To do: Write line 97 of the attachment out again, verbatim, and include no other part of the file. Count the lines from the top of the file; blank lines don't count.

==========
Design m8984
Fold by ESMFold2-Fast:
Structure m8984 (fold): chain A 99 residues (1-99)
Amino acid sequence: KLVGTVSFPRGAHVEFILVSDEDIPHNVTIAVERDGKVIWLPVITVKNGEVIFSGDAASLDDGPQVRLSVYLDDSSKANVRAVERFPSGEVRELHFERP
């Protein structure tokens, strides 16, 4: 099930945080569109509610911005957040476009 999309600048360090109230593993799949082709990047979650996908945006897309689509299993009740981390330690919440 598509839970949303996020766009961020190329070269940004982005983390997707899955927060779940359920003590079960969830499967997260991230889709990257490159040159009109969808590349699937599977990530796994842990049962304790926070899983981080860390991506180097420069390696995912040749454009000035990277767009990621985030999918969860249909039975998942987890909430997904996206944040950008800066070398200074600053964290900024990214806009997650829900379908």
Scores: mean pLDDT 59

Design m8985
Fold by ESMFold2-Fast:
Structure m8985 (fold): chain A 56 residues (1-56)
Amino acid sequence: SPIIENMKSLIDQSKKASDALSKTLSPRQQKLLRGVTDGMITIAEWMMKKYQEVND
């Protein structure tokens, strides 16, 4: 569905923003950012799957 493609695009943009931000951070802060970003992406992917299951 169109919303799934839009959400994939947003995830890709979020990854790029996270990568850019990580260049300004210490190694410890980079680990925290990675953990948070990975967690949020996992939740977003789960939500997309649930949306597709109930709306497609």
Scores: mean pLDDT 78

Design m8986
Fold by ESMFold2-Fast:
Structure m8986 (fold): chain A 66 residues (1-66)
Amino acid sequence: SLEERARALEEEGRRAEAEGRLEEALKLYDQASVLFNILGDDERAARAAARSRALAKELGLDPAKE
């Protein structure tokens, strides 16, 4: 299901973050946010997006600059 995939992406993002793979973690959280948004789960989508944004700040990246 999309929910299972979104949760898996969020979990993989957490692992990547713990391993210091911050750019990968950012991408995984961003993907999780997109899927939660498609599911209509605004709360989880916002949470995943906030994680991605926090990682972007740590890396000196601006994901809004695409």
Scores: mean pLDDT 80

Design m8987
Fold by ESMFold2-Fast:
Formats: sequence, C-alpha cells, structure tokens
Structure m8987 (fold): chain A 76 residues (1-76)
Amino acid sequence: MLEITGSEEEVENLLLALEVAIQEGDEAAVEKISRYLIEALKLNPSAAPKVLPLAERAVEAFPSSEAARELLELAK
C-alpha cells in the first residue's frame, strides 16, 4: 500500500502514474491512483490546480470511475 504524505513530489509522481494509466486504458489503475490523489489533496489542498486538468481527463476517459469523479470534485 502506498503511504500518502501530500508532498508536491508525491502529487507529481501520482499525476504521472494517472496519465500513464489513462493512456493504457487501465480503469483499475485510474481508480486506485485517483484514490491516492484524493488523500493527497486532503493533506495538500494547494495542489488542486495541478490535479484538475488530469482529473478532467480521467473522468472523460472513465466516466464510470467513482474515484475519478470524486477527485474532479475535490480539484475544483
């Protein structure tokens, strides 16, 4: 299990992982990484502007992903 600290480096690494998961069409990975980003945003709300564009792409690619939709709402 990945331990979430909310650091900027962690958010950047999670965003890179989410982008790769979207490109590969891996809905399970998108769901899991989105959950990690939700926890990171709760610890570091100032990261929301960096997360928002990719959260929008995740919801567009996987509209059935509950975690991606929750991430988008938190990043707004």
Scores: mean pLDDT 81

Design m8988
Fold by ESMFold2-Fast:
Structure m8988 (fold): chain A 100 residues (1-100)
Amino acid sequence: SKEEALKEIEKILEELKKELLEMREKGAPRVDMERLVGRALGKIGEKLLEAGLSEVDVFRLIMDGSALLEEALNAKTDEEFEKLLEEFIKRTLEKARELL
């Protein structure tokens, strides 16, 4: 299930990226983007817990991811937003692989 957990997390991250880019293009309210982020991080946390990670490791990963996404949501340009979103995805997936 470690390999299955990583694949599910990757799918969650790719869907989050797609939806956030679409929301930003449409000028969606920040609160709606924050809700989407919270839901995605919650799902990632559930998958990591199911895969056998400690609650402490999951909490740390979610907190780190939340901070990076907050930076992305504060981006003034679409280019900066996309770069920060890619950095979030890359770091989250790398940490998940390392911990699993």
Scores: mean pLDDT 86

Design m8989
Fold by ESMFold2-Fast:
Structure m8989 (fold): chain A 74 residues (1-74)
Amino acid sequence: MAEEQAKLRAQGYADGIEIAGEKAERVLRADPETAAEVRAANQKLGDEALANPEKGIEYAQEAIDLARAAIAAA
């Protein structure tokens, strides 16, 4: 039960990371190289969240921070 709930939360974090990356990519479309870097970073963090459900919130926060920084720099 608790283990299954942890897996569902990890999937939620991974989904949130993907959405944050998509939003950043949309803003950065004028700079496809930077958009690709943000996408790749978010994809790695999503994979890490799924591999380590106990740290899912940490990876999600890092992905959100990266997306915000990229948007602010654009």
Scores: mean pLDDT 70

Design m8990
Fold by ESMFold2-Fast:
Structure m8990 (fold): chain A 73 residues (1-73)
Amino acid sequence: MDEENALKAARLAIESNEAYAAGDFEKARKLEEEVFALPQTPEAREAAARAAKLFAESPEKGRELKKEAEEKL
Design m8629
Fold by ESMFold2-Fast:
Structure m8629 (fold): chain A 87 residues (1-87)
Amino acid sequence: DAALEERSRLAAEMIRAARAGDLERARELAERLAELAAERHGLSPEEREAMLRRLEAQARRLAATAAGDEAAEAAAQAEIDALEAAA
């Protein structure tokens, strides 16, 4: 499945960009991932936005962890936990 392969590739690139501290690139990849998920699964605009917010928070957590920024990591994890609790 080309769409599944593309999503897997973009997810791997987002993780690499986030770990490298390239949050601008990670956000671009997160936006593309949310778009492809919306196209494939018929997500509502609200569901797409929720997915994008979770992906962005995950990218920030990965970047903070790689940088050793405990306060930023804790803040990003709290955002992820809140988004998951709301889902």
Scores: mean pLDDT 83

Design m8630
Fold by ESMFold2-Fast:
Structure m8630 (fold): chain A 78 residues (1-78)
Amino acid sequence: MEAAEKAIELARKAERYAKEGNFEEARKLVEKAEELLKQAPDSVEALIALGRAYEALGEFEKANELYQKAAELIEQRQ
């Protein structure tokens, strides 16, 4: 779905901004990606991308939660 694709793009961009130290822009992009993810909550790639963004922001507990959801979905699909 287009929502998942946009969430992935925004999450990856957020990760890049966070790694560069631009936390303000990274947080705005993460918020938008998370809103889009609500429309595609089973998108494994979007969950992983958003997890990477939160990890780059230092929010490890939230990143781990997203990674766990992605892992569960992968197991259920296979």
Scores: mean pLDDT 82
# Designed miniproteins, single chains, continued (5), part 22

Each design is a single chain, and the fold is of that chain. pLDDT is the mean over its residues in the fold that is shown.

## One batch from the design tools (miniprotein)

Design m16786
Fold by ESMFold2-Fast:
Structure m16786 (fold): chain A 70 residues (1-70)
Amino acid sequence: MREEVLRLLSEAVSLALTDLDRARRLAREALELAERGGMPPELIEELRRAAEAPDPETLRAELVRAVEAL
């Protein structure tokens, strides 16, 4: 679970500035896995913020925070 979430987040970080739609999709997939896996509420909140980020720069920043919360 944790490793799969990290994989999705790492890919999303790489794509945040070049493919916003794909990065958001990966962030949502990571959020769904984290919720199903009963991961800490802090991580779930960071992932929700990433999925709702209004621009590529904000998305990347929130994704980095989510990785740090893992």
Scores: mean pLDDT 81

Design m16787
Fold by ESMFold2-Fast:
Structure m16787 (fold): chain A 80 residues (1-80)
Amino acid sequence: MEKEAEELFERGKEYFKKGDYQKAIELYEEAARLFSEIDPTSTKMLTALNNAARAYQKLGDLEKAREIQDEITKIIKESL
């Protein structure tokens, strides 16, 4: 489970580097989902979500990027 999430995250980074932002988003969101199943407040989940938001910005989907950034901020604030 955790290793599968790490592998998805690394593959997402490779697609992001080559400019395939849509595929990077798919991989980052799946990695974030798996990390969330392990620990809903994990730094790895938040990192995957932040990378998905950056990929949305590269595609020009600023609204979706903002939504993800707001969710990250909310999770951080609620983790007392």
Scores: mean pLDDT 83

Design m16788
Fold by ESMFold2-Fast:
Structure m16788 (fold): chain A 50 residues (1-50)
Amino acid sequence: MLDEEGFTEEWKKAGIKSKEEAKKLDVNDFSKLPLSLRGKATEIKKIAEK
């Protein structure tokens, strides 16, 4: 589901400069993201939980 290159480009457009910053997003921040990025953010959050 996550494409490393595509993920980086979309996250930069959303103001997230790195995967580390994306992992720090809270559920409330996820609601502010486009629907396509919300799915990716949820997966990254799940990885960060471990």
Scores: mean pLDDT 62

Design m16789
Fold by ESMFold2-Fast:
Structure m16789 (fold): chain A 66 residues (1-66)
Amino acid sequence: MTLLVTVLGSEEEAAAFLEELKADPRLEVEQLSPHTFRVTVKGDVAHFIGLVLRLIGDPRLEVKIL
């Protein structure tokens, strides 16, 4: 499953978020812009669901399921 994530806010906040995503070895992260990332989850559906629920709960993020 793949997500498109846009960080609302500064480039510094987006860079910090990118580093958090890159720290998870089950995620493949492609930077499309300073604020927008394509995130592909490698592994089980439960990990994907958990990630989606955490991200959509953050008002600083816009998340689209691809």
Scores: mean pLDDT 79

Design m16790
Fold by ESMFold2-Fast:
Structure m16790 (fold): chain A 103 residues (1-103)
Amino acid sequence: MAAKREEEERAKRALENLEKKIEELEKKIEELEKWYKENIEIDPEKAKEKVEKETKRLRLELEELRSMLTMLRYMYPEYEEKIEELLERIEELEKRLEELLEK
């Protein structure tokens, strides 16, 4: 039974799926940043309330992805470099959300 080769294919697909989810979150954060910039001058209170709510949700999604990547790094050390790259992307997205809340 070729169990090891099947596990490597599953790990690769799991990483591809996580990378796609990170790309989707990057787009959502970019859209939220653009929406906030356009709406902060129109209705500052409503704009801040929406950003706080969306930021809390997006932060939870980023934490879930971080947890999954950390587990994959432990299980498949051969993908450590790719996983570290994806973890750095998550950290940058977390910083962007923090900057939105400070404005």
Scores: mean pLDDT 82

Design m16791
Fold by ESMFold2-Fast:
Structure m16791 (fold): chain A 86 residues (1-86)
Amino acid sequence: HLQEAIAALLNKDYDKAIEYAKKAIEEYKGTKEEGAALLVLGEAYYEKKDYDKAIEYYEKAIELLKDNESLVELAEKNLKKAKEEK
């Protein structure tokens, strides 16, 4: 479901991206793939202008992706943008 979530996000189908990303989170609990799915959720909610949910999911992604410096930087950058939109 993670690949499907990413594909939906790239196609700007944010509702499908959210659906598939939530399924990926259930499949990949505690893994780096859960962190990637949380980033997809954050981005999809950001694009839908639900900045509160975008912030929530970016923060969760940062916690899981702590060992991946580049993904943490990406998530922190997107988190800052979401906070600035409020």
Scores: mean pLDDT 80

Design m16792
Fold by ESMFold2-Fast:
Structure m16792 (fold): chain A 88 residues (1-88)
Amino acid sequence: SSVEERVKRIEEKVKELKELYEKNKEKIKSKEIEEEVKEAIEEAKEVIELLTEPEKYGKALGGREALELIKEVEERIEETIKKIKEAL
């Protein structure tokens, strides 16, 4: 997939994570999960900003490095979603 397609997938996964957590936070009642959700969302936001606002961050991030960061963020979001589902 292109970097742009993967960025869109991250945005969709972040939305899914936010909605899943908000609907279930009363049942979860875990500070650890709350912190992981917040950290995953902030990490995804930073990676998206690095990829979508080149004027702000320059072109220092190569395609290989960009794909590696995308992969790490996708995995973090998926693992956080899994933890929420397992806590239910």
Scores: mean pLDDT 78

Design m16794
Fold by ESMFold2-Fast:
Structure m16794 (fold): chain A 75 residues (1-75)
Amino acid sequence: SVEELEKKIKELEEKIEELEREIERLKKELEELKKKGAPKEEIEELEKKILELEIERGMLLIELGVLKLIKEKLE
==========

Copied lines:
Amino acid sequence: SSVEERVKRIEEKVKELKELYEKNKEKIKSKEIEEEVKEAIEEAKEVIELLTEPEKYGKALGGREALELIKEVEERIEETIKKIKEAL